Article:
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Stable Sino-UK ties to promote economic cooperation

By Tom Fowdy
0 Comment(s)Print E-mail China.org.cn, July 13, 2021
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A container ship docks at a port in Qingdao, east China's Shandong province, on Jan 11, 2019. [Photo/VCG]

Chinese Premier Li Keqiang recently held an online summit with U.K. business leaders and said that "China is willing to consolidate mutual trust with the U.K., along with mutual respect" and hoping to "expand common ground while shelving differences, deepen mutually beneficial cooperation for win-win results, build consensus and address divergences via equal dialogue, so as to promote the healthy and stable development of bilateral ties."

The meeting was held against a backdrop of relations between the United Kingdom and China having experienced uncertainty. Although Boris Johnson has continued to make a number of gestures towards America's strategic version, nonetheless he has maintained a position of viewing China favourably, calling himself a "Sinophile" and showing understanding of the economic benefits of bilateral ties.

The differences and disruptions have nonetheless held little significance, and, as of July, there have been many signs that the British government is recalibrating its ties with Beijing yet again and turning back to a policy of openness and engagement in the pursuit of economic ties, seen as vital in the wake of leaving the European Union. 

Prior to this meeting, signs of a rapprochement began with a phone call between Foreign Secretary Dominic Rabb and his Chinese counterpart Wang Yi, where the U.K. readout talked of trade between the two countries. 

Last week, Chancellor of the Exchequer Rishi Sunak publicly stated that it was important to deepen economic ties with China and to have a "stable and mature" relationship, an open swipe against Conservative Party hawks who have sought to advocate decoupling and engagement in line with the U.S. vision.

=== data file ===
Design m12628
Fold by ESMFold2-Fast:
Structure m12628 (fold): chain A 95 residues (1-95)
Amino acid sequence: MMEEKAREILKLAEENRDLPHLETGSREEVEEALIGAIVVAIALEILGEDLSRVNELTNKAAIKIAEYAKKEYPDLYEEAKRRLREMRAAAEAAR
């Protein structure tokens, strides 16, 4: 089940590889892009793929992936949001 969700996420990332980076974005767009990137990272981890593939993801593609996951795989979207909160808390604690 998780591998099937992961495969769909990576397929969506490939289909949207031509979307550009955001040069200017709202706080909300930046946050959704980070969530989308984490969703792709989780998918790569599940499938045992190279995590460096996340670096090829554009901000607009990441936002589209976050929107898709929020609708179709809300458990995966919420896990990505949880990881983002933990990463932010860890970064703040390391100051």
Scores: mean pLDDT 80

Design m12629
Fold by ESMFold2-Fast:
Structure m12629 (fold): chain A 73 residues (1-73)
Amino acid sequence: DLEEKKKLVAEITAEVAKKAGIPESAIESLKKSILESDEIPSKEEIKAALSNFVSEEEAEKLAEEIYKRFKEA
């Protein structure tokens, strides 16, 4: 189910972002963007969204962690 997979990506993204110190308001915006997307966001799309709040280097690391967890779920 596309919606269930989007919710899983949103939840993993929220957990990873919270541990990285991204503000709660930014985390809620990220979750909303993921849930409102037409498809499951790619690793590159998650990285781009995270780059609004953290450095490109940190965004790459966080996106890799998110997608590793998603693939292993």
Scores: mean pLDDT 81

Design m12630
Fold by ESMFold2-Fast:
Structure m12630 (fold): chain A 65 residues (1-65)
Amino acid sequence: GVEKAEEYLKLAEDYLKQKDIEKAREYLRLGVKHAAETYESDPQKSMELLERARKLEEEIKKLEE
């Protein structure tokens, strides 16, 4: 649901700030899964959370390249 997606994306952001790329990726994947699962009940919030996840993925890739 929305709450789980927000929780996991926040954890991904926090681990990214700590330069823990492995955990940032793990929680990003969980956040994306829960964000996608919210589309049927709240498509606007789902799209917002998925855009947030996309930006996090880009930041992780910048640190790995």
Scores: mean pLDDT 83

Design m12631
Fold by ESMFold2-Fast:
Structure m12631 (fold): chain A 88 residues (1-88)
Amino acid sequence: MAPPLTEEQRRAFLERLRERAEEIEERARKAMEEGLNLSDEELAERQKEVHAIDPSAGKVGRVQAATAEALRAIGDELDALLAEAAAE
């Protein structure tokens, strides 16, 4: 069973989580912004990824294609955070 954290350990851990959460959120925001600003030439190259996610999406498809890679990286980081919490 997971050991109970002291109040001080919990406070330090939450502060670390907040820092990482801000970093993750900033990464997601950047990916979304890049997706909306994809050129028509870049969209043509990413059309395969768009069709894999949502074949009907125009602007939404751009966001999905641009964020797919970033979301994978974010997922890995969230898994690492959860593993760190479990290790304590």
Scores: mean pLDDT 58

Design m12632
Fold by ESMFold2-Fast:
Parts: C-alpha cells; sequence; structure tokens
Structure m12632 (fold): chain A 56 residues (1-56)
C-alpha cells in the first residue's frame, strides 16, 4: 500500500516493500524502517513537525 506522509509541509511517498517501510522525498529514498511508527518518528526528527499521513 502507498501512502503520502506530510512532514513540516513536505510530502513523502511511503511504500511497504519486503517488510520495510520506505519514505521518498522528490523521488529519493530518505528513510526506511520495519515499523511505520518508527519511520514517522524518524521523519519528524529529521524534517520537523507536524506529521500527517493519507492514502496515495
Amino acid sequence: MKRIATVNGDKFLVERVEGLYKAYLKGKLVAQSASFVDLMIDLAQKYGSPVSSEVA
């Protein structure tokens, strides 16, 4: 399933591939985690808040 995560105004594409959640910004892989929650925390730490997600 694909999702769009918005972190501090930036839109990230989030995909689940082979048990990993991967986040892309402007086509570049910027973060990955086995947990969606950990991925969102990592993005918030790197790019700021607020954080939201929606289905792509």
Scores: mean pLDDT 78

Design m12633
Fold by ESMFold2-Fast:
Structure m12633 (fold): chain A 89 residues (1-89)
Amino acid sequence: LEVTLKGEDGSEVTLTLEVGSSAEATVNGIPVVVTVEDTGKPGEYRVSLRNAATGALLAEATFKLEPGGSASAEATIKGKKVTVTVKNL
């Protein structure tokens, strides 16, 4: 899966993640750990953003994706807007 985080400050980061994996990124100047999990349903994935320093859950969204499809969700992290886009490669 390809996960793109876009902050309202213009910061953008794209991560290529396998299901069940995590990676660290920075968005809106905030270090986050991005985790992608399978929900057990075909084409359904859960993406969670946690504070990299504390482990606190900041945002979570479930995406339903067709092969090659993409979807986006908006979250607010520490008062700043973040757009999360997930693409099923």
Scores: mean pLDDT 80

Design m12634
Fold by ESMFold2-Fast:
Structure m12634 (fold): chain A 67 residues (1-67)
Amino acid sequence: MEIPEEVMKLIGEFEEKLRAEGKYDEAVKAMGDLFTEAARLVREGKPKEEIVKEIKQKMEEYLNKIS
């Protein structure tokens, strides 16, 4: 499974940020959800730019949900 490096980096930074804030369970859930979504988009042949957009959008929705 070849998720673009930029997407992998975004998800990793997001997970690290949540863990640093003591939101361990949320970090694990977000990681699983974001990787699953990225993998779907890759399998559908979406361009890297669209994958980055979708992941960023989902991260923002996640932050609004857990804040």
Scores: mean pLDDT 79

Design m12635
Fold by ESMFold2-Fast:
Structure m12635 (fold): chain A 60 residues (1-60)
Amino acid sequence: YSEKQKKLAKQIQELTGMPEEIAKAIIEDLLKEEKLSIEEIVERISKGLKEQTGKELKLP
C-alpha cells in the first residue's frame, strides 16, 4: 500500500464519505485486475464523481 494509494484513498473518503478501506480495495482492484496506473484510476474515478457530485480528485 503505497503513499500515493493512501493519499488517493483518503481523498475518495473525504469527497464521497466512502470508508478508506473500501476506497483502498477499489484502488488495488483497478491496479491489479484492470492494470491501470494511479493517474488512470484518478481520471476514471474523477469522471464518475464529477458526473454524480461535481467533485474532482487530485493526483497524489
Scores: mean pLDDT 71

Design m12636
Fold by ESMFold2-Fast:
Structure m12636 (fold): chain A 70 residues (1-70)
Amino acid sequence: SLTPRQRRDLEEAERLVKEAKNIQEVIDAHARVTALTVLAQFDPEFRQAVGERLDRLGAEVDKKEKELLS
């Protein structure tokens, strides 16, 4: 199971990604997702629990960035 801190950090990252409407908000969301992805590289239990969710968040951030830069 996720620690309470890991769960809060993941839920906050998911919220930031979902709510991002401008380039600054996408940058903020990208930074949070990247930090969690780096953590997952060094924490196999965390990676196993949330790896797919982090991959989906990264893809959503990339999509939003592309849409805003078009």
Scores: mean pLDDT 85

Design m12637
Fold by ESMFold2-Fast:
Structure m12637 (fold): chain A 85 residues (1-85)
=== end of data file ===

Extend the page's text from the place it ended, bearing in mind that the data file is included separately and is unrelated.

The special relationship with America obviously remains the key driver of Britain's foreign policy. Ultimately, however, there is no Brexit prosperity without China. For the time being, London recognizes that China remains its largest potential market worldwide for exports and a critical source of foreign investment. 

As a result, the U.K. has avoided copying the American policy that has sought to sledgehammer the relationship and promote Chinese decoupling. 

Of course, this remains a very delicate balancing act. A constant factional to and fro between pro- and anti-China members of the British cabinet continues. While the hawks had their day for most of 2020, the pivot towards engagement sees them marginalized for now, with many of their efforts failing to disrupt relations.

This is not likely to shift further unless game-changing tensions occur on some issue or other. This means there is political space for London and Beijing to engage again and focus on promoting economic ties, and this is what Boris Johnson's government is seeking. 

Potential risks will linger in the future; however, for now, one can look beyond the rhetoric and recognize that in practice business as usual is back on the agenda. 

Despite some challenges, the U.K. is still ready to pursue partnership with China in multiple areas. The Conservative right, as well as the media, will always be lurking on the sidelines to stir up trouble however, meaning it will be amicable and procedural, but always slightly on edge. 

Tom Fowdy is a British political and international relations analyst and a graduate of Durham and Oxford universities. He writes on topics pertaining to China, the DPRK, Britain and the U.S. For more information please visit: 


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